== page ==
July 1989

Acting chairman of the NEA, Hugh Southern, releases the statement that the government agency "is expressly forbidden in its authorizing legislation from interfering with the artistic choices made by its grantees… even though sometimes the work may be deemed controversial and offensive to some individuals." President Bush appoints John E. Frohnmayer, to replace Southern, a nomination that was supported by arts advocates.

October 1989

Congress passes the NEA's 1990 Appropriations Bill which contains restrictions on NEA grantmaking procedures. The bill denies funding for projects that 'produce materials which in the judgment of the NEA may be considered obscene, including but not limited to, depictions of sadomasochism, homoeroticism, the sexual exploitation of children, individuals engaged in sex acts, and which do not have serious literary, artistic, political, or scientific value.' The bill authorizes a budget to create a 12-member commission to review the NEA grantmaking policy. The commission members are appointed by the Speaker of the House, the Senate president, and President Bush.

March 1990

The exhibition of Robert Mapplethorpe's The Perfect Moment show premiered at the Cincinnati Contemporary Arts Center, which included five sadomasochistic portraits and two images of naked minors with graphic focus on the genitals. It resulted in the unsuccessful prosecution of the Cincinnati Contemporary Arts Center and its director Dennis Barrie on charges of "pandering obscenity".

November 1990

The art exhibit "Witness: Against Our Vanishing", which discusses the controversial topic of AIDS, opens in New York's Artists Space. Curated by the photographer Nan Goldin, all of the work is created by artists with AIDS or by artists who had died of AIDS. The opening draws 15,000 people. Pressured by Senator Jesse Helms to censor the exhibit, NEA chairman John Frohnmayer withdraws, then restores a $10,000 grant. Helms also publically criticizes New York's Ridiculous Theatrical Company, the theatre that performed a gender-bending production of Camille, written, directed and starring the company’s founder, Charles Ludlam, who, like Mapplethorpe, falls victim to AIDS.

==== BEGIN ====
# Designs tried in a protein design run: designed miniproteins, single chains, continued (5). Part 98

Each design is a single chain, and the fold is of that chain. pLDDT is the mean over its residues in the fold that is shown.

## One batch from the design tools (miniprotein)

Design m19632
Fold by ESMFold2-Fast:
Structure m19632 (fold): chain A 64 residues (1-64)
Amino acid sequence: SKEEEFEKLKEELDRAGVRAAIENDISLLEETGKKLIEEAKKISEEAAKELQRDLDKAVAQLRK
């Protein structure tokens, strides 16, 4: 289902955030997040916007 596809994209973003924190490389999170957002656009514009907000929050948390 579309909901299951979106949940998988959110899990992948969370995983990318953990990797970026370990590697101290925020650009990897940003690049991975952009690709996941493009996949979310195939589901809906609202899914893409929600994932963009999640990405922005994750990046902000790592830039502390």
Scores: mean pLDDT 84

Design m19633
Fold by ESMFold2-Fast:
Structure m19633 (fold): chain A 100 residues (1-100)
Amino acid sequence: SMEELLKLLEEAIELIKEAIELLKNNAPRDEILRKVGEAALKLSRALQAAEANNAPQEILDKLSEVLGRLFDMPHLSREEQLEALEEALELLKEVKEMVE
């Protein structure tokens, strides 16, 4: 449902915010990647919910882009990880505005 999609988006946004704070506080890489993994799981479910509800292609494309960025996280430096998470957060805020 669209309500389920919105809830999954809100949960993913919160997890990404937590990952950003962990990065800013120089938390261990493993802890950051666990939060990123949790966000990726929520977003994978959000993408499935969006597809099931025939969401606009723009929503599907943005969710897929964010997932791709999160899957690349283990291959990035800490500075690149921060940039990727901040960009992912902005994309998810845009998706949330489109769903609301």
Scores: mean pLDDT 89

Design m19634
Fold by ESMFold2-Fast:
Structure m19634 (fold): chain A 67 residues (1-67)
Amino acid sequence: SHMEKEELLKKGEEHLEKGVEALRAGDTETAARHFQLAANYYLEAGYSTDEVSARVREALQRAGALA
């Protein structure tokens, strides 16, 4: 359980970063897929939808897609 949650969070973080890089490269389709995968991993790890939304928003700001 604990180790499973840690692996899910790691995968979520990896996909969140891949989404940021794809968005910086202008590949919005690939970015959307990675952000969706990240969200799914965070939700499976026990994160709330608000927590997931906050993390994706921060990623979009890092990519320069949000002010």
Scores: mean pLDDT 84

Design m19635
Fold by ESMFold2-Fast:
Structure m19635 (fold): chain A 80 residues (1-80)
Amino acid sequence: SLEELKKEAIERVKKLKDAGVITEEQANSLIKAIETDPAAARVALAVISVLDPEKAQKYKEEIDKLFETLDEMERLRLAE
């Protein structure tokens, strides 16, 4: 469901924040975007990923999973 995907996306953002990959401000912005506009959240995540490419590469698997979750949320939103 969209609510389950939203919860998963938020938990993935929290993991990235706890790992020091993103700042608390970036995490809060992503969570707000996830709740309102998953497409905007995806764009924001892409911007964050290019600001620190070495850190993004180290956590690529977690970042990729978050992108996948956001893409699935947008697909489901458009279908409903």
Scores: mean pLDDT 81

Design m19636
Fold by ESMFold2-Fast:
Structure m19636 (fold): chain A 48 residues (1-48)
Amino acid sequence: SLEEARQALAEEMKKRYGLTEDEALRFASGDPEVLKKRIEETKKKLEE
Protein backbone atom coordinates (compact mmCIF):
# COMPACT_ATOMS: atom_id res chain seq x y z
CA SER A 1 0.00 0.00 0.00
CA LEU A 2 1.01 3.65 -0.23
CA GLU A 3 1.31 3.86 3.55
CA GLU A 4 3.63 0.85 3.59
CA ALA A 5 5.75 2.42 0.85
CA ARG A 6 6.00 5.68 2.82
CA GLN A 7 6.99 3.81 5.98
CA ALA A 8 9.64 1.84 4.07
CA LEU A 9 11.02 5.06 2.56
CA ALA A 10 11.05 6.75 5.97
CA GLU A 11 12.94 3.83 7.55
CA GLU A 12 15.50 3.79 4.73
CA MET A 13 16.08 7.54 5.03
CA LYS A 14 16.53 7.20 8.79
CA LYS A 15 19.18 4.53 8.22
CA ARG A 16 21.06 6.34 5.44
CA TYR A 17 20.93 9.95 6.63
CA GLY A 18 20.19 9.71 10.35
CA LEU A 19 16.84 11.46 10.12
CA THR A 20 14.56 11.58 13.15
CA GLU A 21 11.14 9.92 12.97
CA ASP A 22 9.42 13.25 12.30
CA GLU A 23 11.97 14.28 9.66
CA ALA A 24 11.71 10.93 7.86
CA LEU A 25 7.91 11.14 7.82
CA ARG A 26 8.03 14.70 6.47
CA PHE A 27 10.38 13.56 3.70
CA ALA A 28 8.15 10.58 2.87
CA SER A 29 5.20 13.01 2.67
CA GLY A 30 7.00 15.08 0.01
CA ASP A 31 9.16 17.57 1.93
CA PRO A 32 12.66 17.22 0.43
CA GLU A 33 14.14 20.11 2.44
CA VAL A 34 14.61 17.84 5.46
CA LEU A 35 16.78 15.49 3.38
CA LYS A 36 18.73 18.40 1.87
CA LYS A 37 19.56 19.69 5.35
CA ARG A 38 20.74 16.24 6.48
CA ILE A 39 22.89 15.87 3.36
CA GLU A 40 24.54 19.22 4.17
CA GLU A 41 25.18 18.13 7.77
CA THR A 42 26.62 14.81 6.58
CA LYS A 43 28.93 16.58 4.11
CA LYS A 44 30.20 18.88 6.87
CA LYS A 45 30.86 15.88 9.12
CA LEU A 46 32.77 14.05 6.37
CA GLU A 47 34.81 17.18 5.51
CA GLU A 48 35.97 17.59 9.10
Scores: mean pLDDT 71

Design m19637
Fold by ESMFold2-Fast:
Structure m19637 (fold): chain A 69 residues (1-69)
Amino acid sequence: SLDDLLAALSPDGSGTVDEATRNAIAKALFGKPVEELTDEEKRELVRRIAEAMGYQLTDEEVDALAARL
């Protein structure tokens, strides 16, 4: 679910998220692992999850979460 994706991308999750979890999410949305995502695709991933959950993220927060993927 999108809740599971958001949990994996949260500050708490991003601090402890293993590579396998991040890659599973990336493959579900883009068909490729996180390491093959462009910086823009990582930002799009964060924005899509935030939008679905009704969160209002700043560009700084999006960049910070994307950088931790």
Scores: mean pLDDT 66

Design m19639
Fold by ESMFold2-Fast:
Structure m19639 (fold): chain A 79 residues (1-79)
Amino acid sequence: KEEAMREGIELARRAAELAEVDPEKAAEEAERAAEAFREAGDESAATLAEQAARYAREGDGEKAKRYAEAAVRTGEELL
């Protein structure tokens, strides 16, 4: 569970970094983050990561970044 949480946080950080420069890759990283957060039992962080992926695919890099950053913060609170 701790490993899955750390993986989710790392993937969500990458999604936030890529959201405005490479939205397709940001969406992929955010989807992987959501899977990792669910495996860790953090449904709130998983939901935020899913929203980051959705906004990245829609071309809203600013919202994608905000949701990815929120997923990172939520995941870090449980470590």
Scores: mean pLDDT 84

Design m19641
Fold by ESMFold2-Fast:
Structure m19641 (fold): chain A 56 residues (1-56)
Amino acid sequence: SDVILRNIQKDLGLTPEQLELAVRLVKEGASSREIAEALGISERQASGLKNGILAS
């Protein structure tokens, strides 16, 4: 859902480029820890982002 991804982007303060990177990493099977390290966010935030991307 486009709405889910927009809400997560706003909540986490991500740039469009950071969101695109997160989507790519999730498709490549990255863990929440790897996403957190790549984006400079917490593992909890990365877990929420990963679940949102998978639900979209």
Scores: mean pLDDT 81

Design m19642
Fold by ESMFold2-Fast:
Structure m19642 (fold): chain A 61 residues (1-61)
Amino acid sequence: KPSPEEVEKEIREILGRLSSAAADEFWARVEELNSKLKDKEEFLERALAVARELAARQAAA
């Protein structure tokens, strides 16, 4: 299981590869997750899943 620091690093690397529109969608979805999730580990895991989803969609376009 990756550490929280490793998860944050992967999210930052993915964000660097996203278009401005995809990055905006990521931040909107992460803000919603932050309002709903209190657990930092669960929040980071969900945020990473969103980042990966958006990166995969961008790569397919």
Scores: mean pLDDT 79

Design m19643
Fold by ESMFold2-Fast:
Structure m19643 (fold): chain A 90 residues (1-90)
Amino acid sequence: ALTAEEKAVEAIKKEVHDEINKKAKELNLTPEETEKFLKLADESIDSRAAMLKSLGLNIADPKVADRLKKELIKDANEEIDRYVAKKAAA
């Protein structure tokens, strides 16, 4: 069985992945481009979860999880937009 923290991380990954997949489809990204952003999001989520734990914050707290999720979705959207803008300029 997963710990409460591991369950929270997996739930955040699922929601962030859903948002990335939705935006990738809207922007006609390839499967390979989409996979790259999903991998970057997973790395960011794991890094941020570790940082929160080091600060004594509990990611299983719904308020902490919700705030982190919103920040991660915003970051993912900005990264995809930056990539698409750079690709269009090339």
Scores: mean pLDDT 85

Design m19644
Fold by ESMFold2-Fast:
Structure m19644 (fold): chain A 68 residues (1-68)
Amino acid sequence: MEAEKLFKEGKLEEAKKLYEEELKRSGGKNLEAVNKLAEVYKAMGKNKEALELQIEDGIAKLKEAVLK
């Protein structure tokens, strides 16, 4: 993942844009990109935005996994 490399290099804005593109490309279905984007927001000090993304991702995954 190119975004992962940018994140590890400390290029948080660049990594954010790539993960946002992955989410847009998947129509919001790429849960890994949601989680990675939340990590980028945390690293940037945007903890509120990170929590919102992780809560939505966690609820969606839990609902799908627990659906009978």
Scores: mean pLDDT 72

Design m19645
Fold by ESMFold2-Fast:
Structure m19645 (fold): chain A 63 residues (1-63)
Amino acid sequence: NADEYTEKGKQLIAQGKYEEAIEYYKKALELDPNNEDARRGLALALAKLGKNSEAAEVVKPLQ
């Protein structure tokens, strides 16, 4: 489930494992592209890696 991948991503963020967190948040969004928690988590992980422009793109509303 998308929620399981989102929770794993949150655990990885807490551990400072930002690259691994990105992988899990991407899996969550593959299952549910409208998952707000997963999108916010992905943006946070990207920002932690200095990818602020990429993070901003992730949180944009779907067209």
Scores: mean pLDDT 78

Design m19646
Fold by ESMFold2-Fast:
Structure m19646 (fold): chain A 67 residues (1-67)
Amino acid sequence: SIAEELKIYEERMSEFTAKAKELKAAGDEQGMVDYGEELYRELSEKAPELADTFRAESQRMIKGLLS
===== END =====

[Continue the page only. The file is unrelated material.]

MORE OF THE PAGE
Winter 1990-1991

Along with Artists Space, Senator Jesse Helms targets organizations like Project Artaud and Research Publications of San Francisco, Center on Contemporary Art and Allied Arts, the List Visual Arts Center of MIT, Art Matters, and the American Institute of Architects. Rhetoric on both the right and the left is extreme. The left makes comparisons to the Ayatollah Khomeini. Robert Brustein, critic and theater director, called for political action against the pro-censorship politicians, saying "Gradually, the real enemy begins to take shape–not a few 'dirty' pictures, but the whole corpus of modern avant-garde art."

Out of 85,000 grants during its 25 year history, only twenty pieces have been questioned.

January 1991

President Bush requests a budget of $175 million for the NEA in his 1991 budget report, a two percent increase from the 1990 appropriation of $171.3 million. Reauthorization of the NEA, National Endowment for the Humanities and Institute of Museum Services occurs every five years under the review of The House Education and Labor's Postsecondary Education subcommittee, and The Senate Labor and Human Resources Subcommittee on Education, Arts and Humanities.